prime number question

Jan 2016
104
2
Blackpool
Find the smallest number n for which 11 divides 20n^(2)-1.

For this question, I have made it so that 20n^2 is congruent to -1mod11; the quadratic residues of 11 are
1 goes to 1, 2 goes to 4, 3 goes to 9, 4 goes to 5, 5 goes to 3. But none of these contain the number -1, so -1 does not belong in the set of squares, so how am I supposed to work out this question?
I must have done something wrong in my understanding, so could anyone explain to me what I have done wrong?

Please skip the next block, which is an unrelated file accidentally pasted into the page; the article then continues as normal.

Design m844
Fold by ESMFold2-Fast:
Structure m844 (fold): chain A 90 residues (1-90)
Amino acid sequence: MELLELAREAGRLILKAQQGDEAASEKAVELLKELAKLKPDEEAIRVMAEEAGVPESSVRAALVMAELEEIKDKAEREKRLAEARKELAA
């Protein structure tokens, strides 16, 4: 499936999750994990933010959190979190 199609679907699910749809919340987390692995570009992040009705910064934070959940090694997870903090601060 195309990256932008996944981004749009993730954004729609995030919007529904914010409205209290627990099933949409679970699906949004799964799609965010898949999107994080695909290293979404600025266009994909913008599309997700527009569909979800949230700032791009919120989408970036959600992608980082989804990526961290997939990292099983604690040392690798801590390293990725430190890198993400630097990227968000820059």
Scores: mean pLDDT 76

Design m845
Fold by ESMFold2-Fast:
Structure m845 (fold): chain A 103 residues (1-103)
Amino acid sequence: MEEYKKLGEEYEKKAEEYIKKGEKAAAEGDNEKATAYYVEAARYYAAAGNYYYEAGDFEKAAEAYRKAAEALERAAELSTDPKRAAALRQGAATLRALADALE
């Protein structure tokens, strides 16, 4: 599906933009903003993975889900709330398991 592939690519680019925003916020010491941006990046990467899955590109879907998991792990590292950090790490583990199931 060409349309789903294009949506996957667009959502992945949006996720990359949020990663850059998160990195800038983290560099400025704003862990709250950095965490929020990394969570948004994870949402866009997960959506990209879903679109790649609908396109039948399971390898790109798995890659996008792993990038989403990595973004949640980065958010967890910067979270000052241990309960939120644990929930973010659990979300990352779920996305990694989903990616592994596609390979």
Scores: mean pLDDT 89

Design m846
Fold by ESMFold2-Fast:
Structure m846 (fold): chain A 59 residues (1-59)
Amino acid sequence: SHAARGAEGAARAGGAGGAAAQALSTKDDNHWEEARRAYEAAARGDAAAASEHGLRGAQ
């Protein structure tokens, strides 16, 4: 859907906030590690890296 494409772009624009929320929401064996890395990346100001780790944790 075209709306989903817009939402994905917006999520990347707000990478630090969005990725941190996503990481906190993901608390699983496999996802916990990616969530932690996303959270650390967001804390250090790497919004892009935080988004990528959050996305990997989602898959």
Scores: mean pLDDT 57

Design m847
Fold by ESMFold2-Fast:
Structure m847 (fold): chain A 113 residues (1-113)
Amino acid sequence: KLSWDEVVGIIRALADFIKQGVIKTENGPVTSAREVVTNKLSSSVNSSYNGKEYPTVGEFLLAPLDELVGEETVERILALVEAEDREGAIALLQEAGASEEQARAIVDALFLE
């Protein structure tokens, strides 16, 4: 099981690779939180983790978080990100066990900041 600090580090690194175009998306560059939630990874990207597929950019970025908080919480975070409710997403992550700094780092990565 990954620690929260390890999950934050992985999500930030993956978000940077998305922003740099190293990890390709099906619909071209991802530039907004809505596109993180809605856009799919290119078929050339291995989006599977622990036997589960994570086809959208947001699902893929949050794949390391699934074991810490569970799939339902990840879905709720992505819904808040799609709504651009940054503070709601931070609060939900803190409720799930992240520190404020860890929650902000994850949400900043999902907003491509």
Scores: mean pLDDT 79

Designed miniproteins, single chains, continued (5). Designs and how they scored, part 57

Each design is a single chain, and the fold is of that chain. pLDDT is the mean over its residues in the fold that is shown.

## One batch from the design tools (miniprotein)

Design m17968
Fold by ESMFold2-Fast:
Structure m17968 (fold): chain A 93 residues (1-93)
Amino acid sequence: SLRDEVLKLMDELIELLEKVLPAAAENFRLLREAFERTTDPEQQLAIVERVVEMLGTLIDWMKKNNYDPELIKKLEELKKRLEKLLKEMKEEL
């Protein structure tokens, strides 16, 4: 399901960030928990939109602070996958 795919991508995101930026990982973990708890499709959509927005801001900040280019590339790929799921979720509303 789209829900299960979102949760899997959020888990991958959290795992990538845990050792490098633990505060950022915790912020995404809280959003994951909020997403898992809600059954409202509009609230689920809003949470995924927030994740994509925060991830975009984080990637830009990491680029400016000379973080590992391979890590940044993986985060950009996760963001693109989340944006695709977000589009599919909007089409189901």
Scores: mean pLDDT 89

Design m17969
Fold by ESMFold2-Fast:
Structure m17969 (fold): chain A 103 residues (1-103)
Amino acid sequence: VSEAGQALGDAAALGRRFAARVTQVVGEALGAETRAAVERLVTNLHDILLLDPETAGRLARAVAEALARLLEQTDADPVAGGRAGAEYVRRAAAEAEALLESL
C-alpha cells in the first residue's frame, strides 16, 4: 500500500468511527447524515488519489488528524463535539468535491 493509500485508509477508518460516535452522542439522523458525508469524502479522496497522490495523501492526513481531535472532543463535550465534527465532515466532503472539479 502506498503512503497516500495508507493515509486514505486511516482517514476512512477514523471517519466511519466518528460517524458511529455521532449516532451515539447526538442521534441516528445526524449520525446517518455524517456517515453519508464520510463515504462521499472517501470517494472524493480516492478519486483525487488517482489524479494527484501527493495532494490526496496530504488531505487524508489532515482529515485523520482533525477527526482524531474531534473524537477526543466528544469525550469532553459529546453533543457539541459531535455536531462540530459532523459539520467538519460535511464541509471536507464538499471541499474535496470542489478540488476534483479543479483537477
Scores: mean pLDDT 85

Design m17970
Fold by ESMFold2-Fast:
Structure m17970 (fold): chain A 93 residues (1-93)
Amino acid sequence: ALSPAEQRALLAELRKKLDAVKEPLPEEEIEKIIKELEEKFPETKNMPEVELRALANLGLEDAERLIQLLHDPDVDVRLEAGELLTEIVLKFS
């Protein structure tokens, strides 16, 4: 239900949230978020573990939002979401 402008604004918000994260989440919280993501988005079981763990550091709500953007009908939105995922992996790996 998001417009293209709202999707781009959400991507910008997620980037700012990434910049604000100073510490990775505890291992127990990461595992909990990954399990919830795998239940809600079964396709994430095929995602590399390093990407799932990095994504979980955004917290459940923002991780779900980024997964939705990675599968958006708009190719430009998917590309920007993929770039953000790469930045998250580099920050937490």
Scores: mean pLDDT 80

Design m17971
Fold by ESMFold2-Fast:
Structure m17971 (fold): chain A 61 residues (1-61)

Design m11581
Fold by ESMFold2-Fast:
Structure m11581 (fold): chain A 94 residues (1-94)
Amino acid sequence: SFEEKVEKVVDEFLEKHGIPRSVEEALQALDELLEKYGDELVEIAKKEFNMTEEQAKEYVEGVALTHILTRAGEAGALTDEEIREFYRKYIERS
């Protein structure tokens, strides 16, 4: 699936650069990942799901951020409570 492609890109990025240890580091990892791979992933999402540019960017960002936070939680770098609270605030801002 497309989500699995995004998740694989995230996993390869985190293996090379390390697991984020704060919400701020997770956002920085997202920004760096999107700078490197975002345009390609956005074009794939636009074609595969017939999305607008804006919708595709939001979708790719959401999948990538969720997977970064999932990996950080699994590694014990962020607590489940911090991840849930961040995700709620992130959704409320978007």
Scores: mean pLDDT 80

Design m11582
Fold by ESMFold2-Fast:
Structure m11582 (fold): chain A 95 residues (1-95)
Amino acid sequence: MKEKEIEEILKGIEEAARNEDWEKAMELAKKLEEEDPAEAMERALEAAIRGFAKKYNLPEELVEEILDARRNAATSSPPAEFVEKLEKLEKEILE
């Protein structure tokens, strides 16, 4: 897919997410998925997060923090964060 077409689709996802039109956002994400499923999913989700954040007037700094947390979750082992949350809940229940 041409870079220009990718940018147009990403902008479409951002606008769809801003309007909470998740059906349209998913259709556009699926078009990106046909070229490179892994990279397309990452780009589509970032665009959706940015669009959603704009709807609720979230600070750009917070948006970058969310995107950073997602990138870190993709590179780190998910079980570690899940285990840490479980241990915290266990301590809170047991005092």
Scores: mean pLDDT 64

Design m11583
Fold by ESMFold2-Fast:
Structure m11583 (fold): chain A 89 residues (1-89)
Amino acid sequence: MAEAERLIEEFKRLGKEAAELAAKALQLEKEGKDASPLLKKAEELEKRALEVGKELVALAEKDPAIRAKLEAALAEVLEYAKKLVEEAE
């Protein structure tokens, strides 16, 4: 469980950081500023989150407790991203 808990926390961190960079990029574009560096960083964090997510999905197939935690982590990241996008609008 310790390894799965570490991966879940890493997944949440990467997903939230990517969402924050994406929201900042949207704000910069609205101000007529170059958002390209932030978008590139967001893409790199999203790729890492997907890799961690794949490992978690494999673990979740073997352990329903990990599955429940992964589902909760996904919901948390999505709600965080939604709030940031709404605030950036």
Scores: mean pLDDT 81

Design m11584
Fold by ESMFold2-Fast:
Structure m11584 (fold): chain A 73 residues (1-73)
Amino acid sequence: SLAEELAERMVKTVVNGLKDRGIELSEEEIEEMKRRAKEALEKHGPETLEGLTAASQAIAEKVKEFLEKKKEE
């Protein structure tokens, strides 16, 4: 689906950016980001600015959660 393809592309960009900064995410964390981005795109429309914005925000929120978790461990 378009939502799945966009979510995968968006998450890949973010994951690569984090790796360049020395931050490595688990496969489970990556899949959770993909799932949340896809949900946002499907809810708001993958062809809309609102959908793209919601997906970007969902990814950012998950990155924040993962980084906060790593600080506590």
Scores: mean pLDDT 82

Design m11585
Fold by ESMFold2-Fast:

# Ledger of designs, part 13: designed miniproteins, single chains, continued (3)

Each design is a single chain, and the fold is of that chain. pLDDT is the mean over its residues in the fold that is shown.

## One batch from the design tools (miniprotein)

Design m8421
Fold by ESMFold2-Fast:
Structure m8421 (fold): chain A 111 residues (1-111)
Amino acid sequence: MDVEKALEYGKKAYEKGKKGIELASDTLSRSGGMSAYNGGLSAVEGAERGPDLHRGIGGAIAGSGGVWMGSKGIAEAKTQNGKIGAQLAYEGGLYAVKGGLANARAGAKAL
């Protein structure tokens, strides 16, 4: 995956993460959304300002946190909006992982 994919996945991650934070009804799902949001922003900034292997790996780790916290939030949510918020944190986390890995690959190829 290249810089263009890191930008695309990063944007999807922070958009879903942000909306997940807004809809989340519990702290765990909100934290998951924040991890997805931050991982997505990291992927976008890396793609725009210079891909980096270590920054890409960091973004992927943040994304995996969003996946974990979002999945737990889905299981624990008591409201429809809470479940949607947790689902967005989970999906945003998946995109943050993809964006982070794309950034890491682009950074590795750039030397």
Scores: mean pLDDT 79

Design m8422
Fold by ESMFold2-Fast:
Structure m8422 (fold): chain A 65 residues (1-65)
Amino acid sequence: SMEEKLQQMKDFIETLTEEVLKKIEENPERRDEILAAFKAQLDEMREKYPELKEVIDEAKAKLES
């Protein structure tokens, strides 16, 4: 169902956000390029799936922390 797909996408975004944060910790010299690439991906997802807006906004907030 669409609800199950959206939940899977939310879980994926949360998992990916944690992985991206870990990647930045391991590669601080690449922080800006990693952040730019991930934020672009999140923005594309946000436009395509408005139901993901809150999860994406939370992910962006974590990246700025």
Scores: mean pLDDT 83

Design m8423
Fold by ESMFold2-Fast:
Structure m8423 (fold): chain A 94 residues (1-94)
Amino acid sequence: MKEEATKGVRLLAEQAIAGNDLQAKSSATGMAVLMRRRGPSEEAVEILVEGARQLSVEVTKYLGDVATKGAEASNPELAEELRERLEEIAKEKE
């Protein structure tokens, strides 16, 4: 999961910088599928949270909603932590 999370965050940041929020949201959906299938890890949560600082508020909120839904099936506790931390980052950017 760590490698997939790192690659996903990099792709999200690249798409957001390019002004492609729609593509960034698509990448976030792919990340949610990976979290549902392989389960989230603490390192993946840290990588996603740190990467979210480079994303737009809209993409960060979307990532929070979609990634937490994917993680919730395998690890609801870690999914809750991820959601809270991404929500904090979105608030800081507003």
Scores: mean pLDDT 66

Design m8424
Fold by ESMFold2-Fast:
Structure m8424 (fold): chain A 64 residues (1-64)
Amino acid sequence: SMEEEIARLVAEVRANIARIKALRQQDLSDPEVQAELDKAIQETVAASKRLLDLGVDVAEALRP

Thanks!
 
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Dec 2015
1,069
166
Earth
Try \(\displaystyle 20n^2 -1 =11n^2 +9n^2 -1 \) , now \(\displaystyle 11\) divides \(\displaystyle 9n^2 -1 =(3n-1)(3n+1)\).
 
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Dec 2015
1,069
166
Earth
You can solve the problem in many ways but this one doesn’t need complicated theorems of twin primes.
3n-1 and 3n+1 must be both prime and \(\displaystyle n=2k\) which leads to the known form of twin primes \(\displaystyle (6k-1,6k+1)\).
A weak shortcut just to prove n=4 : \(\displaystyle 3n-1 \geq 12 \) or \(\displaystyle n\geq 13/3 > 12/3=4\).:giggle:
 
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